Rectify (4th and final season, Sundance). The best show currently on TV (The Americans is between seasons). Its glacial pace turns away most viewers ... it’s a gift that creator Ray McKinnon has been given the chance to tell the story in full, given the poor ratings. Recently, I decided the show reminded me of soap operas, where it takes months to resolve anything. Except I don’t expect things to be resolved on Rectify. I can only hope that sometime in the future, people catch up with it on streaming, and kick themselves for missing out in the first place. Aden Young, the unknown-to-me star, is as good as anyone, week after week. And this is what Abigail Spencer did before Timeless. If you actually want to take my advice, this is the show to start with.

Shameless (Season 7, Showtime). Showtime always lets their shows run for too long. That would seem to be a problem here, but somehow, Shameless is still very good. The changes in the characters over the years are believable (at least within the cockeyed world of the show), Emmy Rossum deserved more than one of those awards named after her, and I’m glad it’s still on. Oddly, the least-interesting character is the one played by William H. Macy, the de facto star. Macy is excellent, his character is not.

The Strain (Three seasons, with one more to go, FX). Another zombie show, this one doesn’t try for overarching significance, which for me means it’s better than The Walking Dead. I care about the characters, and there’s some good acting here, but this isn’t a classic.

Supergirl (Season 2, CW). Mostly harmless, with a fresh performance by Melissa Benoist in the title role. I think it’s mostly froth, although some find more depth. The kind of show where, if I get behind, I’ll probably forget to watch it any more, but so far, I’ve kept up.

Timeless (Season 1, NBC). The first few episodes show a decent time-travel drama with a decent cast and decent recreations of the past. Co-showrunner Shawn Ryan’s work is always worth a look, and if you like time-travel stories, this will be right up your alley. Plus, it’s nice to see Abigail Spencer getting work after Rectify. Nothing special, but I’m still watching.

Transparent (Season 3, Amazon). I mention this because most people have at least heard of it. I like it, yet I don’t binge-gobble ... Season 3 was released in September, and I’m still 6 episodes behind. Which must say something, no matter how much I like the show.

The Walking Dead (Season 7, AMC). As of this writing, I’m only one episode behind, but I’m not sure I’ll continue watching. Six seasons is enough, I guess. I always thought this was a good zombie show that was tarted up with character stories, but it’s true, a few of those characters grew on me over time. But starting last season, the creators starting fucking with the audience, and I don’t feel like being fucked with anymore. Plus, at some point, it’s just ridiculous that this show gets away with so much killing (because the victims are already dead). I’m all for TV violence, but don’t be coy (see Ash vs Evil Dead, above).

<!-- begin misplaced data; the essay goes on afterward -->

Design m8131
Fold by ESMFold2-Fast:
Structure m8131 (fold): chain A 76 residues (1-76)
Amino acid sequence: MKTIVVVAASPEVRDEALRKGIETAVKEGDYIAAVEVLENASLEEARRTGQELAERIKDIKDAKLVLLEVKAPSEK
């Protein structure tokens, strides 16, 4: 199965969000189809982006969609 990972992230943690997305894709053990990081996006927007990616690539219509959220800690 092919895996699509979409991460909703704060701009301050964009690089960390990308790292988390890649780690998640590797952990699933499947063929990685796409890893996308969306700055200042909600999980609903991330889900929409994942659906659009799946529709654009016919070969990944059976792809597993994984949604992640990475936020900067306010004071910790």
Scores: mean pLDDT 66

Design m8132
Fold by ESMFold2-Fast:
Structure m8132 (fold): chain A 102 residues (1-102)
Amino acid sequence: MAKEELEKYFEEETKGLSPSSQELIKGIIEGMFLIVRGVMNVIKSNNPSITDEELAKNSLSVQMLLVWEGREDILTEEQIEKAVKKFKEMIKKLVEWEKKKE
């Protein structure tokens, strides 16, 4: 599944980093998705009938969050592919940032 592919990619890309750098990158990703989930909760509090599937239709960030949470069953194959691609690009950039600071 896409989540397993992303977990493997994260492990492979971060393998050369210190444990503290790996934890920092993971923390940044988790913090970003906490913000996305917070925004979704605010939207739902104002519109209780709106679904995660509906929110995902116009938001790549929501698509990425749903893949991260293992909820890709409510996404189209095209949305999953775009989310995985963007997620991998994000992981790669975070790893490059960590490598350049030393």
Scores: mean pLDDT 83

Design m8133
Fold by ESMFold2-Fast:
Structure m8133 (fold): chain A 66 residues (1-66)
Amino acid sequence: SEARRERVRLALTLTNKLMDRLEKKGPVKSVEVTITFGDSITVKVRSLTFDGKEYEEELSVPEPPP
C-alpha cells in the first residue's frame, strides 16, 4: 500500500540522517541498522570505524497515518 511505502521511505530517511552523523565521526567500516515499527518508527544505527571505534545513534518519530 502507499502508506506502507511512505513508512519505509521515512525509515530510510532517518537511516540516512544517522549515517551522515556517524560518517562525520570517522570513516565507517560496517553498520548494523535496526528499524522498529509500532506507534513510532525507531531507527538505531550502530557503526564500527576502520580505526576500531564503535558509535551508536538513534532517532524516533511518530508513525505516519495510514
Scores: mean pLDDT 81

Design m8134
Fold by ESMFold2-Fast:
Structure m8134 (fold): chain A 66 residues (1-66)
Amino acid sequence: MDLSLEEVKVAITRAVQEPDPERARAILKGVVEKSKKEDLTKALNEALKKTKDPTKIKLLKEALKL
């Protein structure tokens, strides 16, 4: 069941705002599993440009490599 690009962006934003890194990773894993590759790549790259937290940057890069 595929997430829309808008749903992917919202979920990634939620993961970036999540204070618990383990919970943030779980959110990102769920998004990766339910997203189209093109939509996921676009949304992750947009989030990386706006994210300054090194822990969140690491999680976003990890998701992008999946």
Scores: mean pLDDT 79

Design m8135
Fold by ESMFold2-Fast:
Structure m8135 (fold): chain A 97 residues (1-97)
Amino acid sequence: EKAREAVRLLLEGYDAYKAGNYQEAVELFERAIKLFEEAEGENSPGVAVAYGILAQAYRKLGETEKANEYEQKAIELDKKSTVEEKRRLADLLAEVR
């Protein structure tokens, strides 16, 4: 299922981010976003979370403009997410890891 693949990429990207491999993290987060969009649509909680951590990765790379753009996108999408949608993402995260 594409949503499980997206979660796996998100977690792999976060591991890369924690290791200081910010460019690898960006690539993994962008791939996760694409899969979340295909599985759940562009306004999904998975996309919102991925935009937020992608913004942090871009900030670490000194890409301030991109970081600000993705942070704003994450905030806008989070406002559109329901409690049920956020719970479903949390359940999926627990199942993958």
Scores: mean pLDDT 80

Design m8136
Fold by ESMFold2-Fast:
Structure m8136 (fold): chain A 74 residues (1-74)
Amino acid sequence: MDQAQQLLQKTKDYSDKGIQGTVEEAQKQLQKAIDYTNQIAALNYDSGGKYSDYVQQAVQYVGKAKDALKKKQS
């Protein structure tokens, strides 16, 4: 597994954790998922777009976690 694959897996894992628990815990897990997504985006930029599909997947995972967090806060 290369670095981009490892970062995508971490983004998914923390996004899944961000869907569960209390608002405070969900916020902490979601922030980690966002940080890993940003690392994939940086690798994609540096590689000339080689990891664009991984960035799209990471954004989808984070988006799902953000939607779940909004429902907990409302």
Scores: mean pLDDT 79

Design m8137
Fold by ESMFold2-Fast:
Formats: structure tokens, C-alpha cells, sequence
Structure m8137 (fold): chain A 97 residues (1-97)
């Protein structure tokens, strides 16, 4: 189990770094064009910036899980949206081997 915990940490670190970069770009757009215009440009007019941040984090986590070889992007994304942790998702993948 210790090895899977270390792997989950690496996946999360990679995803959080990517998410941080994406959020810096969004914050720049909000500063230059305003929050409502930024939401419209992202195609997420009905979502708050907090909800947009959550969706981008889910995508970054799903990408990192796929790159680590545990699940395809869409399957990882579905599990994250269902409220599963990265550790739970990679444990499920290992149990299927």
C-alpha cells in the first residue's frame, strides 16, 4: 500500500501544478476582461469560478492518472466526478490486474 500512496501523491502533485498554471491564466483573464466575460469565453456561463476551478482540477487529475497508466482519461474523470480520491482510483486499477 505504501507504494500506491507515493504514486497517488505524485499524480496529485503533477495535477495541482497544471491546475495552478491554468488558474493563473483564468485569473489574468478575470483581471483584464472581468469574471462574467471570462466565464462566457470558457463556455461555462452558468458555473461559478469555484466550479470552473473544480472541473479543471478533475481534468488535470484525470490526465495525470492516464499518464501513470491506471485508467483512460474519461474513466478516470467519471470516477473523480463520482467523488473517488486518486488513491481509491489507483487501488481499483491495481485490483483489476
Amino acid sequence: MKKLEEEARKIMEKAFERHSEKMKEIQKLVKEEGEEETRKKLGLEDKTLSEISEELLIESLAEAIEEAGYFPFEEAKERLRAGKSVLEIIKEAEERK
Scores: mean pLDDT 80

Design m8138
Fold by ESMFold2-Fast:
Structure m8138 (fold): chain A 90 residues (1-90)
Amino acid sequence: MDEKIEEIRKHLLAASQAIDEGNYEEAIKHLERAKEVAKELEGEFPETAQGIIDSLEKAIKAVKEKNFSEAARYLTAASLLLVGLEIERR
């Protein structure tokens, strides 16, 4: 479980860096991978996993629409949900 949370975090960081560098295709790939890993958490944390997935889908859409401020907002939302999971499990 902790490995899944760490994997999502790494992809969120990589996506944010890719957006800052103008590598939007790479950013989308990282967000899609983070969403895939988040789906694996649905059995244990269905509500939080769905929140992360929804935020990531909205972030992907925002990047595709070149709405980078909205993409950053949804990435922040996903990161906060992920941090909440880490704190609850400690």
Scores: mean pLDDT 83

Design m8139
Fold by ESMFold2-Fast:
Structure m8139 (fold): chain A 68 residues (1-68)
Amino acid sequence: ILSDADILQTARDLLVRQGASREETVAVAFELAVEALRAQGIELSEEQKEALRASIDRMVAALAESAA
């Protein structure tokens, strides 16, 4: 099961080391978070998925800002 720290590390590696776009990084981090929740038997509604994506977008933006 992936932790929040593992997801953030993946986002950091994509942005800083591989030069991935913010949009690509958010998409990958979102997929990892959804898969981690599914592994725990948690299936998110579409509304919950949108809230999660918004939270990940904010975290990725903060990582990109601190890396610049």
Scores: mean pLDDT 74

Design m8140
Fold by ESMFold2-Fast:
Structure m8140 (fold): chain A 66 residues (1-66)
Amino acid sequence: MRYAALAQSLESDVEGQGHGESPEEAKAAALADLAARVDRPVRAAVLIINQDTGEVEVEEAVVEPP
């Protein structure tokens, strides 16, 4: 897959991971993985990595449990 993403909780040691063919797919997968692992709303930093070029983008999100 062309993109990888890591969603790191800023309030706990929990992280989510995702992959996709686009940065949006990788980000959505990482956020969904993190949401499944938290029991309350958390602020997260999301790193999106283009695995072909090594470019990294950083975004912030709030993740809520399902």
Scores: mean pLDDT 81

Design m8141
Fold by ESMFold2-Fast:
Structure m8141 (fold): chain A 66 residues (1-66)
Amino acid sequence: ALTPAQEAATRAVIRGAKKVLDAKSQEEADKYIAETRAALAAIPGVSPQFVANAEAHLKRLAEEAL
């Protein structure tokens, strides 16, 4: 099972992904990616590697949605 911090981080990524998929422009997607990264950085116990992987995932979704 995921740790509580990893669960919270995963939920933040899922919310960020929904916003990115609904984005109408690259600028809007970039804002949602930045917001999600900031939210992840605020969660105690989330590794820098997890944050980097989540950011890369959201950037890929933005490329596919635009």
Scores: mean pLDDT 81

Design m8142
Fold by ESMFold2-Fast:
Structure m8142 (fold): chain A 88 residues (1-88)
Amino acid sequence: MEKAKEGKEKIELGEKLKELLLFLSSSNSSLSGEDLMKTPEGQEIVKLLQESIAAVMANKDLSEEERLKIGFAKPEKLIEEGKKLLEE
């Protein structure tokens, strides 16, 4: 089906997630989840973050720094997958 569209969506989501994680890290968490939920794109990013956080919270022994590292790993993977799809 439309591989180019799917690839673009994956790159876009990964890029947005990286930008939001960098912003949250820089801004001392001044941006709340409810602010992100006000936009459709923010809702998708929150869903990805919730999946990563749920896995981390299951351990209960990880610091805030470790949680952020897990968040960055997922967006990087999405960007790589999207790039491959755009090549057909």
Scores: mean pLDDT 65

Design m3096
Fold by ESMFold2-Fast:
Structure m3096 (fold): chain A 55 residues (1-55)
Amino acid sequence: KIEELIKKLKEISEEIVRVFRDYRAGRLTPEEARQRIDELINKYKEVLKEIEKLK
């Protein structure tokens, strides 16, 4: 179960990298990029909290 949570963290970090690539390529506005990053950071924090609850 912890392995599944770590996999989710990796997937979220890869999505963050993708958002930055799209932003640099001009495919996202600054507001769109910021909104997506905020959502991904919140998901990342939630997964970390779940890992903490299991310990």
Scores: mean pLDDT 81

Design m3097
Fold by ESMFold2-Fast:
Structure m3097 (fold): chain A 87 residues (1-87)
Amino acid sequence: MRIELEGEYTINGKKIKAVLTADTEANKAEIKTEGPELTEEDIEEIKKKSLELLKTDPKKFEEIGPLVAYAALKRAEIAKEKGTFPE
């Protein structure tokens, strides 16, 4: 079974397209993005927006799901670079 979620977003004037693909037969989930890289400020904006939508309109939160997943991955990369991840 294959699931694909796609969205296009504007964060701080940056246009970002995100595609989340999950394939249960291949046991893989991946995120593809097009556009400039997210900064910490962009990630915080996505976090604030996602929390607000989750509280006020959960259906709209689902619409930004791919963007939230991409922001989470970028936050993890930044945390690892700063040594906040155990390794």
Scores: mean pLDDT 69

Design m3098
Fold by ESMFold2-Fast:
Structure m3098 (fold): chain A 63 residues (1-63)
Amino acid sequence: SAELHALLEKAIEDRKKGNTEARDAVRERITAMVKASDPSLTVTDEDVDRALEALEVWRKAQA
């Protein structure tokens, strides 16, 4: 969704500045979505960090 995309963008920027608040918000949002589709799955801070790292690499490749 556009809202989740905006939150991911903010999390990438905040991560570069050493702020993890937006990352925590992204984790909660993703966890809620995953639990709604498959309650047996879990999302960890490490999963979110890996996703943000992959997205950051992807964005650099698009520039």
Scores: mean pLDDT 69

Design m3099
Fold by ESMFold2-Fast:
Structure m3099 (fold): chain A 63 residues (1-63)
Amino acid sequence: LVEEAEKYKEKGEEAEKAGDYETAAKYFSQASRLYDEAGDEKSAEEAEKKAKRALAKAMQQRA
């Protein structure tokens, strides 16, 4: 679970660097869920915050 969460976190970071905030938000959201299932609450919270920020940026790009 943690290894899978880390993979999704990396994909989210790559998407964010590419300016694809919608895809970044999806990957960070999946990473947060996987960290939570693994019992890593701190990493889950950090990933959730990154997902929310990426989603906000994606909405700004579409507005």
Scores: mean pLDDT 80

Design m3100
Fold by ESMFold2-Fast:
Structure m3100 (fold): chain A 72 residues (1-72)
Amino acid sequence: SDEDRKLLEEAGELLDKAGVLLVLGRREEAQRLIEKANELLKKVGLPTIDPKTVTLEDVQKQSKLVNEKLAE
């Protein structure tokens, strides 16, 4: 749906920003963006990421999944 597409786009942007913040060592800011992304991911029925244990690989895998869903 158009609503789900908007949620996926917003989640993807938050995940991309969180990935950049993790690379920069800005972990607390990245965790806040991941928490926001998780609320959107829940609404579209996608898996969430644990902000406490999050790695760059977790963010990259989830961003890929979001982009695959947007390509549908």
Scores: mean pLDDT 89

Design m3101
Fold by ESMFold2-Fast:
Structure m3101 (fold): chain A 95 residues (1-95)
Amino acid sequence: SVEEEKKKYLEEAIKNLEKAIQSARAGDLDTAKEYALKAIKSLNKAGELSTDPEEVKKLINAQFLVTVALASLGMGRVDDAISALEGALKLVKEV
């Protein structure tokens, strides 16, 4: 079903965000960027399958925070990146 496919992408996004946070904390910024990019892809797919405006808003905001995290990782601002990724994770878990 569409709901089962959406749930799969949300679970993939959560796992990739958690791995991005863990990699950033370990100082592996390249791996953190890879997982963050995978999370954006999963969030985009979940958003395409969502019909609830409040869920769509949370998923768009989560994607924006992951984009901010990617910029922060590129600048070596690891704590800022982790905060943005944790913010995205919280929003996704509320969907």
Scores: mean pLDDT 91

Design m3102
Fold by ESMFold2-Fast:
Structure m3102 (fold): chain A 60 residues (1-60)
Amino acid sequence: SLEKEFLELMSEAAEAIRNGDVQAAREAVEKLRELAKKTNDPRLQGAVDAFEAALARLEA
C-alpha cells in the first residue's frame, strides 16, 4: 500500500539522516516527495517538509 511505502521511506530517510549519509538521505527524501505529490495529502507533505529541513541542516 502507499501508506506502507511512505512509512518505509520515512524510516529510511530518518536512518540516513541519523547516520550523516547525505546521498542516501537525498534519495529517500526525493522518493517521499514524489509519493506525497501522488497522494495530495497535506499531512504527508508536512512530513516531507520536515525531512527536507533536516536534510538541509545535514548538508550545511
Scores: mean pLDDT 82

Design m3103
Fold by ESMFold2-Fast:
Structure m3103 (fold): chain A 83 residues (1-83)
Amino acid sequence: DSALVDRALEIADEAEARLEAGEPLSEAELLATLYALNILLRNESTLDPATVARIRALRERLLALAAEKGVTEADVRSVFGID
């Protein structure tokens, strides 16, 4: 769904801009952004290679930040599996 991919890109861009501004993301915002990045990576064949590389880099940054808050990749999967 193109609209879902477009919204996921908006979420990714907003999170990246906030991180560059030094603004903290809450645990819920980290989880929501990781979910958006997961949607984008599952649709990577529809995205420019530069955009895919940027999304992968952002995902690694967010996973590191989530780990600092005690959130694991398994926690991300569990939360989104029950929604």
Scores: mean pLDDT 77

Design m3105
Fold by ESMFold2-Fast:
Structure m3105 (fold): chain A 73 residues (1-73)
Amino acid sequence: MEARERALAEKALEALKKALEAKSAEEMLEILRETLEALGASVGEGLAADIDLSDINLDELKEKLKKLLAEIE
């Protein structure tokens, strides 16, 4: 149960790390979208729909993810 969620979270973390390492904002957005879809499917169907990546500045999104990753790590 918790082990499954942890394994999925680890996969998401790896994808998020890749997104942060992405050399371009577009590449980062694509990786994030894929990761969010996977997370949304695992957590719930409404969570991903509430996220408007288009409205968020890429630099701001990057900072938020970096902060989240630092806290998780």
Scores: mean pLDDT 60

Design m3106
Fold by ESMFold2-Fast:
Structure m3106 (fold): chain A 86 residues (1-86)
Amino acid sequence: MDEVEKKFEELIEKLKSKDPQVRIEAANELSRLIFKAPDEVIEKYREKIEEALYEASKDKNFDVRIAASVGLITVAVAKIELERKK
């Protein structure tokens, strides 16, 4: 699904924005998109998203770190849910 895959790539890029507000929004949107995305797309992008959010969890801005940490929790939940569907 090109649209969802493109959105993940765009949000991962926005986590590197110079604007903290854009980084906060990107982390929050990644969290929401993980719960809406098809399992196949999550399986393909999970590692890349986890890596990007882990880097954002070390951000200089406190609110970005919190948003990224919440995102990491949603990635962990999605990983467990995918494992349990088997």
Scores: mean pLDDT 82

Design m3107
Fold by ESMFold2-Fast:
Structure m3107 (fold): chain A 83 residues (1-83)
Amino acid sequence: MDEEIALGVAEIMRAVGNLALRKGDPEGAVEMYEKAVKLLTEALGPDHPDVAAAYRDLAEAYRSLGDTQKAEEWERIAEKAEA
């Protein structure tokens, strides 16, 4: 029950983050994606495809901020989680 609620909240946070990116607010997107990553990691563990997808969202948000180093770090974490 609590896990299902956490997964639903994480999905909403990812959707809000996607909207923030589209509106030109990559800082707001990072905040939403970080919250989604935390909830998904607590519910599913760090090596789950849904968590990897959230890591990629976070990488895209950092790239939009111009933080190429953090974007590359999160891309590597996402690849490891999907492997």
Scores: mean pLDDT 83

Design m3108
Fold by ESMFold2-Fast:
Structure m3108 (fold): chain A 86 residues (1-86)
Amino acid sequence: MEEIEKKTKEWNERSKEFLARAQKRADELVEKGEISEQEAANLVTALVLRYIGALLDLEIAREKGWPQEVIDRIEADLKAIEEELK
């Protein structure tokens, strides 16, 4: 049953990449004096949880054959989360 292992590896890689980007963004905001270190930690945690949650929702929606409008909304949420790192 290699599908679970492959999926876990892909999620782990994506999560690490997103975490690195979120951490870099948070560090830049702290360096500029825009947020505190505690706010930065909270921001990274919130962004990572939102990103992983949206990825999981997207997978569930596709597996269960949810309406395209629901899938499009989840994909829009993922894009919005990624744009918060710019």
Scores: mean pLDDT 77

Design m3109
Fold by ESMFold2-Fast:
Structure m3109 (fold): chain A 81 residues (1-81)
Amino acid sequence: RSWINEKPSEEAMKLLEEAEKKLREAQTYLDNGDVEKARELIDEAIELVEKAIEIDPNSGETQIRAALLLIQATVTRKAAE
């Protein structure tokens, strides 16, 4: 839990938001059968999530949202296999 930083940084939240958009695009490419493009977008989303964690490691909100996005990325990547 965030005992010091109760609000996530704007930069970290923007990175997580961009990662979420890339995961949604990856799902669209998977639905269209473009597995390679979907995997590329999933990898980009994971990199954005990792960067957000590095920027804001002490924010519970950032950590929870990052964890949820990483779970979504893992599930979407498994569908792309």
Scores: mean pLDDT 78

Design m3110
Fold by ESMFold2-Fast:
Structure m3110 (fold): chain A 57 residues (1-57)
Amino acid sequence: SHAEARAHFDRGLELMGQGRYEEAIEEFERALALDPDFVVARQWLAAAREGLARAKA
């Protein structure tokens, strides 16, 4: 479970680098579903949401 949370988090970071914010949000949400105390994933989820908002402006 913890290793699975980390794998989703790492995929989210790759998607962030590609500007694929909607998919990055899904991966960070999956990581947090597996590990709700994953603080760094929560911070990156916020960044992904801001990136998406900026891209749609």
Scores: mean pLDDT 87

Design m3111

Westworld (Season 1, HBO). Gorgeous to look at, with a stellar cast, a bit like Timeless with a budget. The producers are trying for something big, but they are also big fans of keeping viewers in the dark about the ultimate scenario for the show. This is trickier than it used to be, since the Internet allows for hive-mind break downs of every detail. I have a feeling this is a less-than-meets-the-eye show, but it definitely pleases the eye.

I’m leaving out some shows that will be returning, hopefully soon. The Americans (FX) is the best show on TV ... I highly recommend catching up with it during its off-season. The 100 (CW) became quite problematic in its third season, yet I may be looking forward to next season more than any other show on this list, and it’s another I recommend you catch up on (be aware it takes a few episodes before it reaches its potential). There are the usuals: Broad City, The Leftovers, Orphan Black, Outlander, Sense8. A special shout out to Outlander, because it is a special show. As usual, I haven’t said much about plots or concepts here ... if you’re interested in any of these but can’t quite figure out what they are about, well, that’s why we have the Internet. And apologies for all the shows I’ve forgotten here ... the pitfalls of Peak TV.

ash, the evil dead, s. clay wilson, and my wife

My wife doesn’t have a birthday. She has a Birthday Month. So I have to be on my toes all through October, not just on the 4th (which is what the rest of us would call her birthday).

Last night we settled in to watch TV. She wanted to start with Designated Survivor, the new, so-so- Kiefer Sutherland show. I was feeling a bit sad ... silly, really, but I wished we liked more of the same TV shows and movies. Designated Survivor may turn out to be a show we watch together, but it kind of gives “common ground” a bad name.